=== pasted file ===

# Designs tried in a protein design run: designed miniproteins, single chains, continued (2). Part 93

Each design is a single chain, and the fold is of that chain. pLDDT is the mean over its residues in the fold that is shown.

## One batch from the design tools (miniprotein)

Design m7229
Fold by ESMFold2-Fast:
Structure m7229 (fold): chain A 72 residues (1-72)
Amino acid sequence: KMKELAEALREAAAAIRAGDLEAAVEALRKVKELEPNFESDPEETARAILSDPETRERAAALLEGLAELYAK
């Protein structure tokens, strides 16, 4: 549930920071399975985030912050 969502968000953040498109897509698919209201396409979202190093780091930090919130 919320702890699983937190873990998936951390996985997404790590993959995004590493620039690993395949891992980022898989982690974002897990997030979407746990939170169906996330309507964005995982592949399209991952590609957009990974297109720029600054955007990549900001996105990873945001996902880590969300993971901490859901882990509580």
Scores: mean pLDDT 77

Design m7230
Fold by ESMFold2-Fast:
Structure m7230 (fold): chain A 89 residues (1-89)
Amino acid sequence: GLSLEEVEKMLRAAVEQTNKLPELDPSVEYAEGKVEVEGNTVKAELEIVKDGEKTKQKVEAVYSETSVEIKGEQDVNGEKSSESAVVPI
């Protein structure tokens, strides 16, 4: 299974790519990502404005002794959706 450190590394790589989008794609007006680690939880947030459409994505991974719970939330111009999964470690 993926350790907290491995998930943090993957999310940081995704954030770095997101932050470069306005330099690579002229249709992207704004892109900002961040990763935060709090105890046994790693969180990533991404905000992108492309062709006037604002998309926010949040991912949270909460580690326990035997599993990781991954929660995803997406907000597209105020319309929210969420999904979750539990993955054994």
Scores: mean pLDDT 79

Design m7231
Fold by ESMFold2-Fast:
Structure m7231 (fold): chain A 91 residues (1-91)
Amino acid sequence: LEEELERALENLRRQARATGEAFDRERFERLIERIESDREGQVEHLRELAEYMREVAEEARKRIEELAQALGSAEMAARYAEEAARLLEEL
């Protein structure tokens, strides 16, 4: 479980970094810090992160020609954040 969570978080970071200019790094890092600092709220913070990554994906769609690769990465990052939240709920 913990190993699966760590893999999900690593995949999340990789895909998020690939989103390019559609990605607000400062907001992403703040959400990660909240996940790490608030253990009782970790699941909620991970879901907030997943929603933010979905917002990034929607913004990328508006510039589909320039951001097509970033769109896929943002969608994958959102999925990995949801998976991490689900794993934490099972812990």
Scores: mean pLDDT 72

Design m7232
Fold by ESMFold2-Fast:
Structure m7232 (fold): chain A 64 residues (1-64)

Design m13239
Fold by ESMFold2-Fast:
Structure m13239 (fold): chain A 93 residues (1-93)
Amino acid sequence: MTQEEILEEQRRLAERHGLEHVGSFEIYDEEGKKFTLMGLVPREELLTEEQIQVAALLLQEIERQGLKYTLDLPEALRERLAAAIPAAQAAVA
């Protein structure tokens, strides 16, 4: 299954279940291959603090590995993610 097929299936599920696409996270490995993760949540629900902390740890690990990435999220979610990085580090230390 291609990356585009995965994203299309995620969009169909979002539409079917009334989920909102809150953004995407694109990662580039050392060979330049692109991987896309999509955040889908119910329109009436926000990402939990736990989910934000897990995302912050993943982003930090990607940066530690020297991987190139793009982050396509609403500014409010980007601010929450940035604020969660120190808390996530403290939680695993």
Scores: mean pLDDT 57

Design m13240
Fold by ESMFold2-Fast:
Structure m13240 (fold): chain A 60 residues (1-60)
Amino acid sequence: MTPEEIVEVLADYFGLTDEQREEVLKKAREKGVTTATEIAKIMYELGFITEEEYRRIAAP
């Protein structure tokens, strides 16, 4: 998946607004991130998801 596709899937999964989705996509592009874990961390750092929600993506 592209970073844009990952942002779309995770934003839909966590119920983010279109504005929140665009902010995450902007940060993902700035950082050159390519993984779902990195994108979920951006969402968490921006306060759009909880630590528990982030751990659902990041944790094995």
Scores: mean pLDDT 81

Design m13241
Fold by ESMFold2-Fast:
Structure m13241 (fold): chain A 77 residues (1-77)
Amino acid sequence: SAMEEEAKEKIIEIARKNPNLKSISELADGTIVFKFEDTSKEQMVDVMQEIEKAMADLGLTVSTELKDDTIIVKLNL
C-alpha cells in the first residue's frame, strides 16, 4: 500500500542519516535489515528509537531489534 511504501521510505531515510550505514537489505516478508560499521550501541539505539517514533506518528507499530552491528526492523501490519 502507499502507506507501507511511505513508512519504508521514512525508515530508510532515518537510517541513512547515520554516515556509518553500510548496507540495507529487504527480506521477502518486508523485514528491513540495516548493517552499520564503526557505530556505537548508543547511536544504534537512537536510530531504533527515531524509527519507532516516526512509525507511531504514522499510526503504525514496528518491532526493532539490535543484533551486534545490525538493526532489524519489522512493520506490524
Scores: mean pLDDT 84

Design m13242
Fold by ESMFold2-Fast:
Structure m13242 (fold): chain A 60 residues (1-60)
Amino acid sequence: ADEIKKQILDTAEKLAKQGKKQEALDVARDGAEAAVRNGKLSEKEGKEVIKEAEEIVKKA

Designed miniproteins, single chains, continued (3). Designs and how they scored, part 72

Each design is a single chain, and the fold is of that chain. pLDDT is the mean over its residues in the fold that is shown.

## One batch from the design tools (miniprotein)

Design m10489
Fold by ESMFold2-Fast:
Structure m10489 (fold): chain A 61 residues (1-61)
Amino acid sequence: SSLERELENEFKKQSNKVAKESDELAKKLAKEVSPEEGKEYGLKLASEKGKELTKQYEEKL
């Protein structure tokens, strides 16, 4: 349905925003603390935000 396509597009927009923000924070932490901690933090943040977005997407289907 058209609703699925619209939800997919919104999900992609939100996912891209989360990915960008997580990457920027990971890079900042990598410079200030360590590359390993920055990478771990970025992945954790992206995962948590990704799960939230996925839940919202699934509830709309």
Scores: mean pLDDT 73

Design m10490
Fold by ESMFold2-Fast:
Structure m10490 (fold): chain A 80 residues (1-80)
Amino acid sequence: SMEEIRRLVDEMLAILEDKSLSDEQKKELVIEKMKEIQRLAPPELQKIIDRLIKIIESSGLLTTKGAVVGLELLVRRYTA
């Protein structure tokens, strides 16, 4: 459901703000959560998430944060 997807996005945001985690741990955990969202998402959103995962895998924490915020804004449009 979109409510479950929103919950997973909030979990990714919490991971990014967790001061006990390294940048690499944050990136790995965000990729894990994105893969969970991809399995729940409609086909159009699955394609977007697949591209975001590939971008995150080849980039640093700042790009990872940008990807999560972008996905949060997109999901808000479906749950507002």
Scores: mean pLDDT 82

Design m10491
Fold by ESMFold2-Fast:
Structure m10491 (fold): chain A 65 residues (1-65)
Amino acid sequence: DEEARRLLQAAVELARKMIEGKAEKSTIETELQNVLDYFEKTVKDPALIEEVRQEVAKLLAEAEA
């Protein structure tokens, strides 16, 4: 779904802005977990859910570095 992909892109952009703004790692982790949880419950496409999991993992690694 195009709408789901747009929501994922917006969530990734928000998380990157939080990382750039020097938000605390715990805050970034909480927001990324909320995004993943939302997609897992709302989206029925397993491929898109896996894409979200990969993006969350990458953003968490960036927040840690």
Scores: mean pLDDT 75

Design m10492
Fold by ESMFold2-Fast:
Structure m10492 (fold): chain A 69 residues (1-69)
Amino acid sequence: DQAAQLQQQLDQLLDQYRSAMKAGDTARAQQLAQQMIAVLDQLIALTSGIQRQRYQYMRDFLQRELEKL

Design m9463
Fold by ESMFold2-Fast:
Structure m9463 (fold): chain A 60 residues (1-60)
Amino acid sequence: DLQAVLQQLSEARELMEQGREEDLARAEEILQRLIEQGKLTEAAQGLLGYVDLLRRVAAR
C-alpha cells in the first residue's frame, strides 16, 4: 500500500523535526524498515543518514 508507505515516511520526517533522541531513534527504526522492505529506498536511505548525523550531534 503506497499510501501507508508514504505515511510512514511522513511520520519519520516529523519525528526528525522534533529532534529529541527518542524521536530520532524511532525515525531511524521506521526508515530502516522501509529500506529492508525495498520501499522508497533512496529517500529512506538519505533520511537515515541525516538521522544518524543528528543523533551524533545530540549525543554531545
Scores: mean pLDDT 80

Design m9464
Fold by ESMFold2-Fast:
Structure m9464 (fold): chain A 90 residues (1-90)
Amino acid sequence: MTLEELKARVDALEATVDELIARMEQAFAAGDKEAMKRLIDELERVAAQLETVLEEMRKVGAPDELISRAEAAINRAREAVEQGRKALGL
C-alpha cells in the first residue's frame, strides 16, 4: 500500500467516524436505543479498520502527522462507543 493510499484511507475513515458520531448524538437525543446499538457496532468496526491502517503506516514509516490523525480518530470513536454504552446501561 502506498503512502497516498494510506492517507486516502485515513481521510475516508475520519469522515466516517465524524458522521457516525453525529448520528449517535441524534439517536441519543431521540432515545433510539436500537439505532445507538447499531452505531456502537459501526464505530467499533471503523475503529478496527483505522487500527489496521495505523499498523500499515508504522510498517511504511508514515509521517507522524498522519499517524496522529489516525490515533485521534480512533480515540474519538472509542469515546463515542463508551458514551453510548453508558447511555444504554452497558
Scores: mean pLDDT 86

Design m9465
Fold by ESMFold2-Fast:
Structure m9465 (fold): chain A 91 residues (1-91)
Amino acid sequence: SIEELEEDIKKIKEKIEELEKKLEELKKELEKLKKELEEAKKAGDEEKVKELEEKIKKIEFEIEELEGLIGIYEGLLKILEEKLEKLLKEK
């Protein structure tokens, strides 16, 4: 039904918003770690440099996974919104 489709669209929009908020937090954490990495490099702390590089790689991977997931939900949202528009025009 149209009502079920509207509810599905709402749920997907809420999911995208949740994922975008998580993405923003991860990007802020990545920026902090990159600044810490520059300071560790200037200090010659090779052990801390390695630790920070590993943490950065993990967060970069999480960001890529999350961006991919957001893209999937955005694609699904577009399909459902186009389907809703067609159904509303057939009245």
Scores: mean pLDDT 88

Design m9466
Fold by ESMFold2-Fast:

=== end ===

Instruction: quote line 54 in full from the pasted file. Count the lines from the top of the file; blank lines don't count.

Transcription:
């Protein structure tokens, strides 16, 4: 349905925003603390935000 396509597009927009923000924070932490901690933090943040977005997407289907 058209609703699925619209939800997919919104999900992609939100996912891209989360990915960008997580990457920027990971890079900042990598410079200030360590590359390993920055990478771990970025992945954790992206995962948590990704799960939230996925839940919202699934509830709309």